Tuesday, May 21, 2013

Health Food It's Not - São Paulo

Here's the view from my seat at the bar at the local padaria. This is where I spend a half-hour while my kids do capoeira, the Brazilian martial art, at an academy across the street. There is absolutely nothing like the local padaria, which is roughly translated to bakery, but is really so much more.

At a smaller padaria like this one, breakfast is whatever can be grilled up--including my favorite pão na chapa (grilled French bread and butter)--as well as assorted baked goods. Some of the bigger ones have breakfast and lunch buffets with fruit and salads. In this picture you can see some coxinhas in the warmer in front of me--these are hot chicken-filled pyramids of fatty goodness. And you can't eat one without the spicy sauce.

And the coffee, ah the coffee. All of them have the giant espresso machines that serve up strong espresso, frothy cappuccinos (which include LOTS of chocolate here in Brazil) and any variation you want. Now if you want a plain old American type coffee with milk, you have a bit of a problem in how to describe it. Some say it is a "carioca" (coffee from Rio) or "americano" (that's a bit obvious) but in the end, you will probably have to describe it to your server and they will ask you about what kind of milk, frothy or hot. Possibly the best-kept secret of Brazil, though, is the fresh orange juice. Fresh squeezed from a speedy machine--I can hear the sound of its grinder now. Zip, zip, zip and a huge glass of orange juice sits in front of you. Delicious.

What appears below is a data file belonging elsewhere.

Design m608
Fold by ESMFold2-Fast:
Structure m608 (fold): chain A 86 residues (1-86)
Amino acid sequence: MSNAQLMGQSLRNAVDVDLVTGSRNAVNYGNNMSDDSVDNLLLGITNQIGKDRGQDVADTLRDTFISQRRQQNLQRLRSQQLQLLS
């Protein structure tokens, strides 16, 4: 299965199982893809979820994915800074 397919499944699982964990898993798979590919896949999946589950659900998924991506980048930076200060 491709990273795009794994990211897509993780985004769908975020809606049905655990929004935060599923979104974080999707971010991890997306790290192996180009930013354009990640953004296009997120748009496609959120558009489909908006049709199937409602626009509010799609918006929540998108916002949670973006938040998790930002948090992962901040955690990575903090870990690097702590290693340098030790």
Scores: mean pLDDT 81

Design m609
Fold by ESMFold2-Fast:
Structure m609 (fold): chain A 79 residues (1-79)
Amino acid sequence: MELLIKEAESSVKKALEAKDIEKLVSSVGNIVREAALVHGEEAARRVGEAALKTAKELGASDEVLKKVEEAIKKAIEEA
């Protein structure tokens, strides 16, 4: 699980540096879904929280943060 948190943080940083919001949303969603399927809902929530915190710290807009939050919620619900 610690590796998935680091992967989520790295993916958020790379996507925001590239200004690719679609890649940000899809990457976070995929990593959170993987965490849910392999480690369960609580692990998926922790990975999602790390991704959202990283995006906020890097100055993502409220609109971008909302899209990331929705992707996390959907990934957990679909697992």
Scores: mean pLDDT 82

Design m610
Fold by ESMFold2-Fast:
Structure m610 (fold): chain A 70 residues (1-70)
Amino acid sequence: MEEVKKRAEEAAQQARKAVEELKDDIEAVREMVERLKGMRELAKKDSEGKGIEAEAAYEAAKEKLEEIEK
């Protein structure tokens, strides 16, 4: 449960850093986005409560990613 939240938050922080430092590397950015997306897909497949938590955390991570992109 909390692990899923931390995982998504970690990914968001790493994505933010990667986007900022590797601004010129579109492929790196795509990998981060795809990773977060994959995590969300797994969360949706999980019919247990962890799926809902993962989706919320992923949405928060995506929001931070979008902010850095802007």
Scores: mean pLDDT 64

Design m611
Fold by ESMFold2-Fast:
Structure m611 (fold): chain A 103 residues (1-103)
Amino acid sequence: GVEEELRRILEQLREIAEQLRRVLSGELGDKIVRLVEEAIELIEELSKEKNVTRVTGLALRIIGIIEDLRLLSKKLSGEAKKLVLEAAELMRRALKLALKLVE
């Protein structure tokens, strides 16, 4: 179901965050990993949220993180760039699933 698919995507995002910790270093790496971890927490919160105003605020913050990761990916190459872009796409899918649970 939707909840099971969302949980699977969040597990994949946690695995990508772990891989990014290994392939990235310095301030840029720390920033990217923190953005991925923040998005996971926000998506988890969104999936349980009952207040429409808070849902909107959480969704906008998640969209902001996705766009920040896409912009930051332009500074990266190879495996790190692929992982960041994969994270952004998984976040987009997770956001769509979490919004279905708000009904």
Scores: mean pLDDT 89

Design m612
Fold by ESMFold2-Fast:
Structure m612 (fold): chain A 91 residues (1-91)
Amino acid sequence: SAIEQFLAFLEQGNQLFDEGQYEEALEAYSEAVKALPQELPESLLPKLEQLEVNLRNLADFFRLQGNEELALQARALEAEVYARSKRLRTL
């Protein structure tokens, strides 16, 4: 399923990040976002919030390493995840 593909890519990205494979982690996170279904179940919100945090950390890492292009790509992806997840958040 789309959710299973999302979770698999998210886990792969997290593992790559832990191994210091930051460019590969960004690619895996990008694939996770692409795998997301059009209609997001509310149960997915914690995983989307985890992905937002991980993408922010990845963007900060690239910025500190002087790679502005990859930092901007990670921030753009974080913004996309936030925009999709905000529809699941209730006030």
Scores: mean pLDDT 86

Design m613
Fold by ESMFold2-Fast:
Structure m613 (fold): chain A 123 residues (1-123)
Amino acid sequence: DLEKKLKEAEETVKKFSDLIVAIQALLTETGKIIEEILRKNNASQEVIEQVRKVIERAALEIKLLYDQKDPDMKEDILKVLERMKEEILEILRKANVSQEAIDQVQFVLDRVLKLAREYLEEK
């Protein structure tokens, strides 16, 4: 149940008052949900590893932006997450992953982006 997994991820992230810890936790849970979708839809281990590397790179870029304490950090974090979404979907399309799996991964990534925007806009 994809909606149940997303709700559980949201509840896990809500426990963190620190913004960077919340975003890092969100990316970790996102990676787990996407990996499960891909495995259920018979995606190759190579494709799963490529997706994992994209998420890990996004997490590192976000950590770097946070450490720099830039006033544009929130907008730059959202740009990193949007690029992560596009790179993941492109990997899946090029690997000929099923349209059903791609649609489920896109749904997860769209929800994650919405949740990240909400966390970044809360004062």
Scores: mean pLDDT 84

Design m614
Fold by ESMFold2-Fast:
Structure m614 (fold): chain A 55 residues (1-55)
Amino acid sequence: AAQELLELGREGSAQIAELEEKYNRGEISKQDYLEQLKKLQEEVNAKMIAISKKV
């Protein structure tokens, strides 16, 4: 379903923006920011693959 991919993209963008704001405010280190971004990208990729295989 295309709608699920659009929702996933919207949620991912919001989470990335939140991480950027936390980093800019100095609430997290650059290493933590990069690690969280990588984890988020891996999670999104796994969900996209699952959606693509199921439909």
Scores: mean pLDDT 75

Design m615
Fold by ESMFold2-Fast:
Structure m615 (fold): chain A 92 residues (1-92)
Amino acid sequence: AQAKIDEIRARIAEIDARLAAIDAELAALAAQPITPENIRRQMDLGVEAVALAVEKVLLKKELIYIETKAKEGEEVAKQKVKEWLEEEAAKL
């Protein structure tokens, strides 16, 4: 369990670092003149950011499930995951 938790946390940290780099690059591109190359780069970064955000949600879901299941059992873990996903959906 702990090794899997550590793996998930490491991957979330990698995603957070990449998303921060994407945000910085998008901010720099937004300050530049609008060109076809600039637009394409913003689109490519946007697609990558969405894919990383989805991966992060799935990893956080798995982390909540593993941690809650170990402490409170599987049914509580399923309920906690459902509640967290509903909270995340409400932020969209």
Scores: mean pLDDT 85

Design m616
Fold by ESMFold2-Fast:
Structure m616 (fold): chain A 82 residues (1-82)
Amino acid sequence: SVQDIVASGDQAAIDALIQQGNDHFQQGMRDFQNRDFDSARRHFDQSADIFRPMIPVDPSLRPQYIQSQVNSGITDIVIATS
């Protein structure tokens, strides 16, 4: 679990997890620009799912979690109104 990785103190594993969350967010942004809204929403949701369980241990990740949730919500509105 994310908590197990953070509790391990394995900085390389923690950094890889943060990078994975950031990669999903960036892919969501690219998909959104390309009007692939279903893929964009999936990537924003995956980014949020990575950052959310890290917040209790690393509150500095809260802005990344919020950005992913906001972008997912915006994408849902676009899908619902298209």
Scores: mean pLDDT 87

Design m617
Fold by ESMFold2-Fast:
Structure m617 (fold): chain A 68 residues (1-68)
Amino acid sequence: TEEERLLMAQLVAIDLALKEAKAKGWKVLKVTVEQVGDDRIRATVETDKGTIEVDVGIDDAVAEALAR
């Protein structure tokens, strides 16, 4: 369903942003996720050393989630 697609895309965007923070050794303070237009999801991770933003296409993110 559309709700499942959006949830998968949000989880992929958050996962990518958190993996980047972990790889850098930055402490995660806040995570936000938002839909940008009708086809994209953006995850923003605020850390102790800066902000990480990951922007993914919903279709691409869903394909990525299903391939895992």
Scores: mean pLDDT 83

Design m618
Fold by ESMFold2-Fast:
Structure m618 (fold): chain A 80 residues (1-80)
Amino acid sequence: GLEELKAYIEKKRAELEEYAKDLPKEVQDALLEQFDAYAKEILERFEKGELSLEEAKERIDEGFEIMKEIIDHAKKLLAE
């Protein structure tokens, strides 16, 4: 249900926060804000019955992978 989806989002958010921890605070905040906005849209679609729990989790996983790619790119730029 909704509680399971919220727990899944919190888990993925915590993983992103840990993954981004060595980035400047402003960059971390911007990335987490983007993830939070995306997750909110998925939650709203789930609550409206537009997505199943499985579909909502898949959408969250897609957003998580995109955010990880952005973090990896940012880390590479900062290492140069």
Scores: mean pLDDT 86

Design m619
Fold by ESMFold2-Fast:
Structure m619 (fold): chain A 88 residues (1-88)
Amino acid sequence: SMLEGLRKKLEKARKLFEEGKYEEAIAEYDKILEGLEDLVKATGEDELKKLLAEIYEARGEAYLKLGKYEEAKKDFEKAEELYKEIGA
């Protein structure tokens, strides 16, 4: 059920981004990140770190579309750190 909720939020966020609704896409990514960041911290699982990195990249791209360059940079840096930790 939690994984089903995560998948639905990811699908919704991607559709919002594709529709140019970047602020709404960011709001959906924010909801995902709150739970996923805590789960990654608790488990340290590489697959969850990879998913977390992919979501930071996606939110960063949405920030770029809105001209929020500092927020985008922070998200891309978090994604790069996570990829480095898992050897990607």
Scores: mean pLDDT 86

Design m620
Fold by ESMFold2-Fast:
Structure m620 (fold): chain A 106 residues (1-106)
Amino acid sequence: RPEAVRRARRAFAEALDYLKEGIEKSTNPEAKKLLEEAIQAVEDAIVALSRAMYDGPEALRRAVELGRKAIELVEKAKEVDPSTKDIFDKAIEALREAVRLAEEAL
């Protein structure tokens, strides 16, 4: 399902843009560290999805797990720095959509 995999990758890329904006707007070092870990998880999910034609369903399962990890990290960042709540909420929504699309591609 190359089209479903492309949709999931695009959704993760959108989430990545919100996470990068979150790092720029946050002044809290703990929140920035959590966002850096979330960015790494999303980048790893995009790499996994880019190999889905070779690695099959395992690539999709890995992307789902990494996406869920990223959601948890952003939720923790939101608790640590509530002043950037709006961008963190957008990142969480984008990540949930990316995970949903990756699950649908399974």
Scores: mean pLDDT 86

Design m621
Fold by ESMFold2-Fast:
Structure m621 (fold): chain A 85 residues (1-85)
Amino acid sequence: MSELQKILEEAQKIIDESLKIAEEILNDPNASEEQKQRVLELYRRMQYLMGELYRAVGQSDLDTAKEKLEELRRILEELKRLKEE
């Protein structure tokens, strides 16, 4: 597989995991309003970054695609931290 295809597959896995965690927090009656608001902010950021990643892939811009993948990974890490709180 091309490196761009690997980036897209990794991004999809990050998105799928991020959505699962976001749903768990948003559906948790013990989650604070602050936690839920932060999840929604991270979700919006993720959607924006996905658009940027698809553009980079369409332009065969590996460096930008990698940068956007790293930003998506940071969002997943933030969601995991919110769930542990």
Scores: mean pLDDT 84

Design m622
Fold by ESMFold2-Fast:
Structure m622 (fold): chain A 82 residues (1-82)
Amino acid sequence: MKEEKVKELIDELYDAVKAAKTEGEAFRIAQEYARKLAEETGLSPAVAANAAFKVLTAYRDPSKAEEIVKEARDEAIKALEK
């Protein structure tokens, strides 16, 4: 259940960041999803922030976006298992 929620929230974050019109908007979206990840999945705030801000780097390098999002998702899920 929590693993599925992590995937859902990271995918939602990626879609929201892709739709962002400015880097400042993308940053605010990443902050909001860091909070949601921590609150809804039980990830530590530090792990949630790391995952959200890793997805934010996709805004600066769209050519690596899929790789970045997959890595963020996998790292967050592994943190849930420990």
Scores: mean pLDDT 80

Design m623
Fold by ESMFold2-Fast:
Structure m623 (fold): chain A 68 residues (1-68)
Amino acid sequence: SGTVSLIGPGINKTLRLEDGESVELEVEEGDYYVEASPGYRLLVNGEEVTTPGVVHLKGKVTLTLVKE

A padaria is probably most closely related to the old American diners. Quick, no-frills service, good basic food, and reasonable prices. Maybe a diner mixed with a convenience store since all padarias have a small section where you can buy milk, and a few necessities for your pantry, as well as a full baked good section with elaborate cakes and fresh bread.

It's also a great place to hang out if you are eating alone. It usually has a bar (where I am seated at this photo) and then lots of casual tables where you can linger for long periods of time, reading your paper or letting your kids spread jelly on the walls (that NEVER happened. Never. Okay, once).  Padarias are mostly open from early morning until early evening--we have the largest one in São Paulo near our house and it is open 24 hours. At lunch or dinner time you can get a great steak, eggs and french fries to soothe your arteries. Salads need not apply (okay, yes, they do usually have some, but it's not the specialty).

1 comment:

  1. My favorite is pão de batata recheado de catupiry (while still warm), yummy!